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China's Emerging National Security Interests and Their Impact on the People's Liberation Army

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On 17 December 2010, a Tunisian street vendor lit himself on fire at the door of a government office that had refused to address his complaints. Like the single spark that Mao Zedong once said could start a prairie fire, this man s death set off a blast of unrest that engulfed not just Tunisia but Egypt, Libya, Syria, and beyond. In the early months of 2011, China found itself struggling to remain ahead of this sudden wave of antiregime uprisings, and to protect its overseas interests. The Chinese government reacted quickly, expressing strong concern that the Egyptian and Libyan revolutions could threaten its local energy investments, restrict energy flows through the Suez Canal, and weigh down its economic growth rates with a rise in energy prices. Faced with a sudden need to protect tens of thousands of its expatriate citizens, Beijing took an unprecedented step, calling upon the People s Liberation Army PLA to support the foreign ministry s evacuation efforts. The People s Liberation Army Navy PLAN dispatched a warship that was taking part in an antipiracy mission off the Horn of Africa to the waters off Libya. It also directed People s Liberation Army Air Force PLAAF transport planes to evacuate Chinese citizens. By 2 March, two weeks after the Libyan revolt erupted, more than 35,000 Chinese citizens had been safely removed. At the United Nations UN, Chinese diplomats worked to block or at least limit what they saw as Western efforts to exploit the crisis in order to promote international coercion against authoritarian regimes in the region. At home, the Twitter revolutions in the Middle East spurred Hu Jintao to speak of the need to strengthen control over cyberspace and the virtual society, while Beijing launched a crackdown on domestic dissent. Chinese security officials, meanwhile, conferred with Central Asian heads of state about how to prevent instability in China s Muslim borderlands.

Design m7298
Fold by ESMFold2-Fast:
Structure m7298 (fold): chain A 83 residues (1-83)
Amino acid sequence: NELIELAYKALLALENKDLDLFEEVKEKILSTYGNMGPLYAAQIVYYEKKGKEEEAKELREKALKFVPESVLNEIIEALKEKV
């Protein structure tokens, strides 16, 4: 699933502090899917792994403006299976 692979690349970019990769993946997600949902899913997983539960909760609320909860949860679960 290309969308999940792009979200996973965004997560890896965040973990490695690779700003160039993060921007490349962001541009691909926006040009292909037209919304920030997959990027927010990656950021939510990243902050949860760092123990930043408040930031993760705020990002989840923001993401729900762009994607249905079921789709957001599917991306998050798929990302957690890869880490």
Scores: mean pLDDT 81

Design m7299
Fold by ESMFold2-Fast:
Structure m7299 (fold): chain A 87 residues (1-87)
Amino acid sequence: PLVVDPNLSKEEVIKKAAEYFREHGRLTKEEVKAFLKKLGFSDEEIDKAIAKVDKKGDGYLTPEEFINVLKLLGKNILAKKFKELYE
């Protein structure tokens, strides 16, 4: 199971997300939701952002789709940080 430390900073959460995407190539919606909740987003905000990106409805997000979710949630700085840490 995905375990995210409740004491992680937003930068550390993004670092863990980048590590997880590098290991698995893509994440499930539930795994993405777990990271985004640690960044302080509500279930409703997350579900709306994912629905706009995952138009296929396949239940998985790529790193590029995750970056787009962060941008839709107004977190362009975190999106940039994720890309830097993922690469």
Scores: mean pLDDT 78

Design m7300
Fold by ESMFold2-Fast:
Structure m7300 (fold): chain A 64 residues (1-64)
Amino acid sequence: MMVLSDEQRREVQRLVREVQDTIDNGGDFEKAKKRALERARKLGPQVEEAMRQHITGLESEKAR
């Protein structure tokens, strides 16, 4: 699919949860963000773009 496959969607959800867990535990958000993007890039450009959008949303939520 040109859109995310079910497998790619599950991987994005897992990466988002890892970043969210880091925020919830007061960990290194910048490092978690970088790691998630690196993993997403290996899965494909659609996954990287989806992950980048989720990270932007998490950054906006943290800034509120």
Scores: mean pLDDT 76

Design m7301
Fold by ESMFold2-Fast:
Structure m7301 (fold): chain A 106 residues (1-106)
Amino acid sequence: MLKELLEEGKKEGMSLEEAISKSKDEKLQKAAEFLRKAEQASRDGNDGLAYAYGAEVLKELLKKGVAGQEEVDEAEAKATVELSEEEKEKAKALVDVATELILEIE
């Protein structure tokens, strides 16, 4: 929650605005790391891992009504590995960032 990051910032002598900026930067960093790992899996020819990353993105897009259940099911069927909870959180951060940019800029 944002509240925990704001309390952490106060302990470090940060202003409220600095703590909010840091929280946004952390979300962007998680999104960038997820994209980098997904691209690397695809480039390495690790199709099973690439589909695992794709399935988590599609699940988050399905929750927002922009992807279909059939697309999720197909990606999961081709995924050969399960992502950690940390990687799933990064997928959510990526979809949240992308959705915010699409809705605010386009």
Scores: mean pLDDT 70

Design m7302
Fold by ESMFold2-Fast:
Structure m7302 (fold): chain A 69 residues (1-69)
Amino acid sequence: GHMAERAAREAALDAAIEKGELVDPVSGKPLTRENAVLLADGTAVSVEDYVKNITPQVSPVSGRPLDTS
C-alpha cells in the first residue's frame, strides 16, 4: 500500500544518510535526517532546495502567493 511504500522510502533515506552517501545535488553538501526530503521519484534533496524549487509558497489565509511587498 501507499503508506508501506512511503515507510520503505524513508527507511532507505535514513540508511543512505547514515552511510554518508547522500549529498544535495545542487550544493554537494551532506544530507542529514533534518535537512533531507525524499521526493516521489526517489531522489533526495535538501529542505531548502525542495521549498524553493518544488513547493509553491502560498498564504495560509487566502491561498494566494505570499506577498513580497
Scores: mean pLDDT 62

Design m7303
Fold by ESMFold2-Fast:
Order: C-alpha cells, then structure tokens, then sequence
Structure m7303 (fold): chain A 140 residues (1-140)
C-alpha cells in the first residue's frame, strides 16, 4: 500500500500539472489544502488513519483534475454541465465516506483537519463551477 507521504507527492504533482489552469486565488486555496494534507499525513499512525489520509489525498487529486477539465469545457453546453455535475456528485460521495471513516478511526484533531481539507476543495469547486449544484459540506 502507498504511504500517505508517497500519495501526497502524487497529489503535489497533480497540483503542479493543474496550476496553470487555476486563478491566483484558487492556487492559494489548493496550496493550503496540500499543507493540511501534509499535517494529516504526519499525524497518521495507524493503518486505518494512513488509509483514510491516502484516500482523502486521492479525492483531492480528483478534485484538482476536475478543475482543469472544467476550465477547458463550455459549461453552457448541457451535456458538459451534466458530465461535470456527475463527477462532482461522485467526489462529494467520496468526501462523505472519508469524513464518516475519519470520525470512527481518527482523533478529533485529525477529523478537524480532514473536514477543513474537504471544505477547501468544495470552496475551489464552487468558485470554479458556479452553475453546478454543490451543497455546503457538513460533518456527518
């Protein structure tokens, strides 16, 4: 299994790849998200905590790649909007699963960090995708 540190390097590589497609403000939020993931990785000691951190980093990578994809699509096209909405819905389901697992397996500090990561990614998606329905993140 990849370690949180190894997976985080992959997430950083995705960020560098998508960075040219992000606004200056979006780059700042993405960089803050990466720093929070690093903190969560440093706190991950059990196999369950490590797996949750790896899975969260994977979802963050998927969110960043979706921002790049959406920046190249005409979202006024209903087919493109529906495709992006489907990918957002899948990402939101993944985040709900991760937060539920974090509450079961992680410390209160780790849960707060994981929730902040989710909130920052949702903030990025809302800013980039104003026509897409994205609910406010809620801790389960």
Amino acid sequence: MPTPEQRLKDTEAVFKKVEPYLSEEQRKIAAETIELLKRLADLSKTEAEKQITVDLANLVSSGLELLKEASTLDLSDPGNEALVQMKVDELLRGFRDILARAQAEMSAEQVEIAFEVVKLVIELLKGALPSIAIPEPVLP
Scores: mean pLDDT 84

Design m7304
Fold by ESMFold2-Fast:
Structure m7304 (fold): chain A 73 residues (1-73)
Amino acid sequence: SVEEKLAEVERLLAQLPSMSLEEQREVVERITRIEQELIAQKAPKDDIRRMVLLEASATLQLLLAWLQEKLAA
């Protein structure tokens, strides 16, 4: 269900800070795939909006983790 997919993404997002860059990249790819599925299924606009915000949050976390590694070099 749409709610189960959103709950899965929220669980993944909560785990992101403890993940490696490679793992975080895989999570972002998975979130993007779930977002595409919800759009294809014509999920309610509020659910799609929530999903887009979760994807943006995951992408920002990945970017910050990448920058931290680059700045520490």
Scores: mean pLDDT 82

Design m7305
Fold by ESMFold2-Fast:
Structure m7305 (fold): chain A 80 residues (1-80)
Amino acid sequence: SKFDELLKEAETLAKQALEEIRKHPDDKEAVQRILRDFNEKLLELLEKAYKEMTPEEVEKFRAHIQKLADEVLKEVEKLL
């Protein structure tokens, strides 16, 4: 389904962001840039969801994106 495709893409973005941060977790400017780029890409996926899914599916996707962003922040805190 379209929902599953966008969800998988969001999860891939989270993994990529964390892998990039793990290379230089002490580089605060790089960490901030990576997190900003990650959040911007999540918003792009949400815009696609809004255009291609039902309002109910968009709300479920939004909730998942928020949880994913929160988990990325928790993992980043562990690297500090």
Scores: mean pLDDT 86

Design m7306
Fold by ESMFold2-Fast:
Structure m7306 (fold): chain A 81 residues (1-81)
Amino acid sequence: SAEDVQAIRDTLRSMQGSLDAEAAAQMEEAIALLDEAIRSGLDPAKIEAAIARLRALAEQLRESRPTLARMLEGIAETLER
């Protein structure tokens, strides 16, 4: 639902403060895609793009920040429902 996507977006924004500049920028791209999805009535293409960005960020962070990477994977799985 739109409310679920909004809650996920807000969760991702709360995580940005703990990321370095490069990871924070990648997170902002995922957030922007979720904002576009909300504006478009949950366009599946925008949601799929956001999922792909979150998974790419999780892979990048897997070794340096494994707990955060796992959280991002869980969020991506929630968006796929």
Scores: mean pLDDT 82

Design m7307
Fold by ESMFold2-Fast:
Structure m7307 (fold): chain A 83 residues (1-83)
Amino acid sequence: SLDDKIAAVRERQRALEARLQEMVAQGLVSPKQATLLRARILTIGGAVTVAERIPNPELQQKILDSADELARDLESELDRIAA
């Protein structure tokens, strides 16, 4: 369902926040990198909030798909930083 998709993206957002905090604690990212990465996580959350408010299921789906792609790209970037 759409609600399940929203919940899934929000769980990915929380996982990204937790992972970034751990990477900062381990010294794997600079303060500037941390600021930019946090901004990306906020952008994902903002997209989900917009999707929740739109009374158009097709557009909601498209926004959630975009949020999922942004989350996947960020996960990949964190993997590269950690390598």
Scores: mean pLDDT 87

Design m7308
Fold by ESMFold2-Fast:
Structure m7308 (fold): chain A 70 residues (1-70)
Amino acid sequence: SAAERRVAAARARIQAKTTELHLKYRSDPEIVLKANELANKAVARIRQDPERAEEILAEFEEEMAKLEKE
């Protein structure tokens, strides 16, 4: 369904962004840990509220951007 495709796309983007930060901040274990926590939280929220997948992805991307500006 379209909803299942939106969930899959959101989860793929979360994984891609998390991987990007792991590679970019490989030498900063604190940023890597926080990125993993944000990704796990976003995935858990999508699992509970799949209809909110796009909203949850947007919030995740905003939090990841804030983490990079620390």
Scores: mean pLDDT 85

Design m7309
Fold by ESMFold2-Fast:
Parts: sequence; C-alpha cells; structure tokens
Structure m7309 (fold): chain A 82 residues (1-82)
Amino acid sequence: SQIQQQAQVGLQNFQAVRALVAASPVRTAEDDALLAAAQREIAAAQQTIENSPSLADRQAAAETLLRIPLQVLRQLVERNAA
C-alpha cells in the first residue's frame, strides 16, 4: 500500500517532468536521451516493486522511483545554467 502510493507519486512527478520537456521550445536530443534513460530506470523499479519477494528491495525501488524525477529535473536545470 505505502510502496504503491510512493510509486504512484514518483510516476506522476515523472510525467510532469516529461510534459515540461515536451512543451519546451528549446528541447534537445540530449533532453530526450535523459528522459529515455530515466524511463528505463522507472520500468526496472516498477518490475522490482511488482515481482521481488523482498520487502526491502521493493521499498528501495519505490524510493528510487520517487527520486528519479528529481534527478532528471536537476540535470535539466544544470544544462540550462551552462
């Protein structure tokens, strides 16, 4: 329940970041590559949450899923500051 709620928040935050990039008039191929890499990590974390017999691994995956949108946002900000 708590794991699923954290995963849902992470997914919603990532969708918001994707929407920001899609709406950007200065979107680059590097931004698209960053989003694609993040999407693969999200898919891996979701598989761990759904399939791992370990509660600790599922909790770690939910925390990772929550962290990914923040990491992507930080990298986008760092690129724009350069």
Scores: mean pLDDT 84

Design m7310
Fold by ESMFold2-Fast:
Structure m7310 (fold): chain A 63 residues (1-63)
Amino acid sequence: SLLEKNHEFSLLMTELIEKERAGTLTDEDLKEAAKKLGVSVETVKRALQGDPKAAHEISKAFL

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  • Government and Political Science
  • Military Forces and Organizations

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